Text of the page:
Eff You Foo Bar
November 10, 2012 — Code
Consider this Ruby code:
if self.new? @new_bar = bar.new @new_bar.baz = new_current_baz_value else self.bars.build(:baz => 7) end
Whoever writes code like this should receive a swift foo in the baz.
In case you didn’t know, variables in programming are used to represent things. Let’s examine:
- foo – not a thing (unless you know your military terminology)
- bar – a place to drink; a rod; 100,000 N/m²
- baz – not a thing
Variable names are important because they illustrate the relationships between objects in code. If you’re using sample code to explain something to someone then variable names are equally, if not more important. Let’s say you have two objects with a hierarchical relationship. Why would you write this:
class Larry def add_moe(name) @tree.add(shemp: self, name: name) end end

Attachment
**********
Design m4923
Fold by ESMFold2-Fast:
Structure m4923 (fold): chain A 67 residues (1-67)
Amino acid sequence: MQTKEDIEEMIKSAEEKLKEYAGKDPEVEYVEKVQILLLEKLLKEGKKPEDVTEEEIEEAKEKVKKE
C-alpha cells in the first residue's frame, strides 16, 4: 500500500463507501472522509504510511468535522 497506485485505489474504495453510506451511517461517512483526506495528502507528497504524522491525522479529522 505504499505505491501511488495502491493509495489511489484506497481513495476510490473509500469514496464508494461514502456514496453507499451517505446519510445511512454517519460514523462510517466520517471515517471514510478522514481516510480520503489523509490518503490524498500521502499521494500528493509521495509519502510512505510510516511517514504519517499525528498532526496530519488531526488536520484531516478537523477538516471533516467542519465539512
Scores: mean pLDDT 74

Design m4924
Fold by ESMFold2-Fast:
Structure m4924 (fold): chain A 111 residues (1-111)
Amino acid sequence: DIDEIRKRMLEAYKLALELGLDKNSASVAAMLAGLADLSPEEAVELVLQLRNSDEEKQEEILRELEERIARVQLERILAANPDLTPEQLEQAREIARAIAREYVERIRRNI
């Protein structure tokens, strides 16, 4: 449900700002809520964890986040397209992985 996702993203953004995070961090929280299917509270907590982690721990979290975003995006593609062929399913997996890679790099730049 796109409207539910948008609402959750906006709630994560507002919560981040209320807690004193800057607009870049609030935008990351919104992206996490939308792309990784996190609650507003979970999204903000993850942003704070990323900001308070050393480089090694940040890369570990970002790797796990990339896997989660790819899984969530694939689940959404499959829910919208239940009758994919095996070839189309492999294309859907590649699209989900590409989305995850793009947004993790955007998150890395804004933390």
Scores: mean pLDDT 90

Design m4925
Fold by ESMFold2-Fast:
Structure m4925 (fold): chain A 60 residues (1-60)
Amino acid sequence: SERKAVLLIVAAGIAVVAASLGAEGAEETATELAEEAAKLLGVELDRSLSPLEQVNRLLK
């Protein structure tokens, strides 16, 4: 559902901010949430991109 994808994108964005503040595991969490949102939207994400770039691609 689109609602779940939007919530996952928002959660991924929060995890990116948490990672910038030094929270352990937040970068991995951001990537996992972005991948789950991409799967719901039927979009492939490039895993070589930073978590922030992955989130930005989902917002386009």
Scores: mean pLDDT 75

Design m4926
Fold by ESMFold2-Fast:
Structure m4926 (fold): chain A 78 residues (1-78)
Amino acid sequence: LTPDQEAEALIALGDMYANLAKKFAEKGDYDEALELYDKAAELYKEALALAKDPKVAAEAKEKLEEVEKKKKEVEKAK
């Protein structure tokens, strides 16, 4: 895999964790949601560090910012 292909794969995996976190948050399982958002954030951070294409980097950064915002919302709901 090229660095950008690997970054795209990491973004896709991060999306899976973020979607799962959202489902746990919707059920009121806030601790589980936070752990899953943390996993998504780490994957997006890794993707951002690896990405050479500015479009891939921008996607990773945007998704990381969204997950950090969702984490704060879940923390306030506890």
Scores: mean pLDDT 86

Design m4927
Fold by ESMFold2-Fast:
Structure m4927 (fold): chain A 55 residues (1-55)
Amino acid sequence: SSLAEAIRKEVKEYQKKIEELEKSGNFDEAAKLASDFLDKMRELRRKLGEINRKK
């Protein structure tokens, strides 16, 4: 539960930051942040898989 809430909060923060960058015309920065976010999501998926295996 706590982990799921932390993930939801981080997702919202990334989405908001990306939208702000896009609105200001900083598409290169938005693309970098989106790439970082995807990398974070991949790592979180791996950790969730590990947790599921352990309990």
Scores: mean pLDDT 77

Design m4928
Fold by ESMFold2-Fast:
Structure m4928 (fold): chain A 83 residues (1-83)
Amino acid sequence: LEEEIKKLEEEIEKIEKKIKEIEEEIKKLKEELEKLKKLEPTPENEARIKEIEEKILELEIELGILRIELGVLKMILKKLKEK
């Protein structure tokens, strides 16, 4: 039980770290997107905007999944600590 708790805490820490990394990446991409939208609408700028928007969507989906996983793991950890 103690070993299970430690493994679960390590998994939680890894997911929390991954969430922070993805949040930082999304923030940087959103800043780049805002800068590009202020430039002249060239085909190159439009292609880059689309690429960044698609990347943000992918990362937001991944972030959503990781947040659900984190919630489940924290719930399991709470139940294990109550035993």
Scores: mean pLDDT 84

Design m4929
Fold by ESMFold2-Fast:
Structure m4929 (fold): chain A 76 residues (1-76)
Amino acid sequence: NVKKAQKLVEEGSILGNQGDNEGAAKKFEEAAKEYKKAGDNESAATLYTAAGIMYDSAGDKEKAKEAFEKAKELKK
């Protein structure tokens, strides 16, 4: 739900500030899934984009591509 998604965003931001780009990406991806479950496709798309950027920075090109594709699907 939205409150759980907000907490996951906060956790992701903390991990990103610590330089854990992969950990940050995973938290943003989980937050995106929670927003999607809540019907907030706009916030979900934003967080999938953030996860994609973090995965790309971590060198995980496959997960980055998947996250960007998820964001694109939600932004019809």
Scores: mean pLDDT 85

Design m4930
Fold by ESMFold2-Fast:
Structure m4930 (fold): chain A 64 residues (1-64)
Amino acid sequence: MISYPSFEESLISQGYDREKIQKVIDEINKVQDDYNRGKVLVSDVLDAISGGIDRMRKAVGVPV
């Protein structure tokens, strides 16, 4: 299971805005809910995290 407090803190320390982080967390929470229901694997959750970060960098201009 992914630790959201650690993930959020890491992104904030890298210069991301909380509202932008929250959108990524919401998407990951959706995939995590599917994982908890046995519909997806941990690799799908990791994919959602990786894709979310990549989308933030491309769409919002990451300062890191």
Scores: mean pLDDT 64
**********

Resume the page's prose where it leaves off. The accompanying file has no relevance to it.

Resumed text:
when you can write this:
class Node def add_child(name) @tree.add(parent: self, name: name) end end
With proper variable names you don’t need to explain that a Larry is a thing that has one shemp and many moes. It’s obvious to anyone who knows about tree-like data structures. When you use the word ‘shemp’ in your code you have to explain what a ‘shemp’ is, and if you need to explain your variable names then your variable names suck.
Not only are foo, bar, and baz completely uninformative and requiring of external explanation, they are even worse than larry, moe, and shemp because “bar” and “baz” look the same!
Please, stop using foo, bar, and baz. You can do so much better.
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